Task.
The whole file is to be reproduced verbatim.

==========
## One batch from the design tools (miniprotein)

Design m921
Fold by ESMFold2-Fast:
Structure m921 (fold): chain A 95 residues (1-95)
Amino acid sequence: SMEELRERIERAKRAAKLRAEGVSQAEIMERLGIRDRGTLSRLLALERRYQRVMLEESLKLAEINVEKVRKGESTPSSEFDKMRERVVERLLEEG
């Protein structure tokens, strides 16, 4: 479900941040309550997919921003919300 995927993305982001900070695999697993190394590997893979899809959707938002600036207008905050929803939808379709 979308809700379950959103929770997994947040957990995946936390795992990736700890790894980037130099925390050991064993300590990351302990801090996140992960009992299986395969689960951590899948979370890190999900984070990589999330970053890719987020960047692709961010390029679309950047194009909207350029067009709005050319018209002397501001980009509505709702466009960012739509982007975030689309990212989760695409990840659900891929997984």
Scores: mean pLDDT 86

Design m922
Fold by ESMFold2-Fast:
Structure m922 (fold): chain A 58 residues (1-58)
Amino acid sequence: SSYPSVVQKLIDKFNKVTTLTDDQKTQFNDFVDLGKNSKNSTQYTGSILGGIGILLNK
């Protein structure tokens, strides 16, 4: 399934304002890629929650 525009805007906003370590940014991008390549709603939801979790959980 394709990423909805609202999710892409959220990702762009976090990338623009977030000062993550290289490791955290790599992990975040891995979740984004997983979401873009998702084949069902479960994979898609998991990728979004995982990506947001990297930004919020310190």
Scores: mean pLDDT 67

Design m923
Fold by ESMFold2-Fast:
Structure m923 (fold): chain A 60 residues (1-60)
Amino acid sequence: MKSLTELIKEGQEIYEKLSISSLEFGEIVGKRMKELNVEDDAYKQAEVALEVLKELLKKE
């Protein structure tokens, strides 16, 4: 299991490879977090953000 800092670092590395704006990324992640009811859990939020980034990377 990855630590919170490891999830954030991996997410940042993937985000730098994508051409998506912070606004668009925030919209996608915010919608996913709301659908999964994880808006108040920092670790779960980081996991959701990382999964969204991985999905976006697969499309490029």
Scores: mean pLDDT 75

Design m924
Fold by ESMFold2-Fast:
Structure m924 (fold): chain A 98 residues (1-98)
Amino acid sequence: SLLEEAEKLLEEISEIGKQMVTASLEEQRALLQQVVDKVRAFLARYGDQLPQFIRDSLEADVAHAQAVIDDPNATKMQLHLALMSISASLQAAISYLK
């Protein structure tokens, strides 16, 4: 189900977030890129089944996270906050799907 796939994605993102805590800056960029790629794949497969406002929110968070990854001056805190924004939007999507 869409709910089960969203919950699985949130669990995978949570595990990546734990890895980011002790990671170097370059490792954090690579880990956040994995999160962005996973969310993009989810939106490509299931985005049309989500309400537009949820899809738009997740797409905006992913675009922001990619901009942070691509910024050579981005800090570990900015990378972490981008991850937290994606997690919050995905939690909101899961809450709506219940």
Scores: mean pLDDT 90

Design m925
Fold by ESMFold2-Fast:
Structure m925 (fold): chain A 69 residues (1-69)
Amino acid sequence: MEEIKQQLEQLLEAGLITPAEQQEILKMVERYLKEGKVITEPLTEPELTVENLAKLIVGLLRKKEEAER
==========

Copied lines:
## One batch from the design tools (miniprotein)

Design m921
Fold by ESMFold2-Fast:
Structure m921 (fold): chain A 95 residues (1-95)
Amino acid sequence: SMEELRERIERAKRAAKLRAEGVSQAEIMERLGIRDRGTLSRLLALERRYQRVMLEESLKLAEINVEKVRKGESTPSSEFDKMRERVVERLLEEG
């Protein structure tokens, strides 16, 4: 479900941040309550997919921003919300 995927993305982001900070695999697993190394590997893979899809959707938002600036207008905050929803939808379709 979308809700379950959103929770997994947040957990995946936390795992990736700890790894980037130099925390050991064993300590990351302990801090996140992960009992299986395969689960951590899948979370890190999900984070990589999330970053890719987020960047692709961010390029679309950047194009909207350029067009709005050319018209002397501001980009509505709702466009960012739509982007975030689309990212989760695409990840659900891929997984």
Scores: mean pLDDT 86

Design m922
Fold by ESMFold2-Fast:
Structure m922 (fold): chain A 58 residues (1-58)
Amino acid sequence: SSYPSVVQKLIDKFNKVTTLTDDQKTQFNDFVDLGKNSKNSTQYTGSILGGIGILLNK
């Protein structure tokens, strides 16, 4: 399934304002890629929650 525009805007906003370590940014991008390549709603939801979790959980 394709990423909805609202999710892409959220990702762009976090990338623009977030000062993550290289490791955290790599992990975040891995979740984004997983979401873009998702084949069902479960994979898609998991990728979004995982990506947001990297930004919020310190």
Scores: mean pLDDT 67

Design m923
Fold by ESMFold2-Fast:
Structure m923 (fold): chain A 60 residues (1-60)
Amino acid sequence: MKSLTELIKEGQEIYEKLSISSLEFGEIVGKRMKELNVEDDAYKQAEVALEVLKELLKKE
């Protein structure tokens, strides 16, 4: 299991490879977090953000 800092670092590395704006990324992640009811859990939020980034990377 990855630590919170490891999830954030991996997410940042993937985000730098994508051409998506912070606004668009925030919209996608915010919608996913709301659908999964994880808006108040920092670790779960980081996991959701990382999964969204991985999905976006697969499309490029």
Scores: mean pLDDT 75

Design m924
Fold by ESMFold2-Fast:
Structure m924 (fold): chain A 98 residues (1-98)
Amino acid sequence: SLLEEAEKLLEEISEIGKQMVTASLEEQRALLQQVVDKVRAFLARYGDQLPQFIRDSLEADVAHAQAVIDDPNATKMQLHLALMSISASLQAAISYLK
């Protein structure tokens, strides 16, 4: 189900977030890129089944996270906050799907 796939994605993102805590800056960029790629794949497969406002929110968070990854001056805190924004939007999507 869409709910089960969203919950699985949130669990995978949570595990990546734990890895980011002790990671170097370059490792954090690579880990956040994995999160962005996973969310993009989810939106490509299931985005049309989500309400537009949820899809738009997740797409905006992913675009922001990619901009942070691509910024050579981005800090570990900015990378972490981008991850937290994606997690919050995905939690909101899961809450709506219940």
Scores: mean pLDDT 90

Design m925
Fold by ESMFold2-Fast:
Structure m925 (fold): chain A 69 residues (1-69)
Amino acid sequence: MEEIKQQLEQLLEAGLITPAEQQEILKMVERYLKEGKVITEPLTEPELTVENLAKLIVGLLRKKEEAER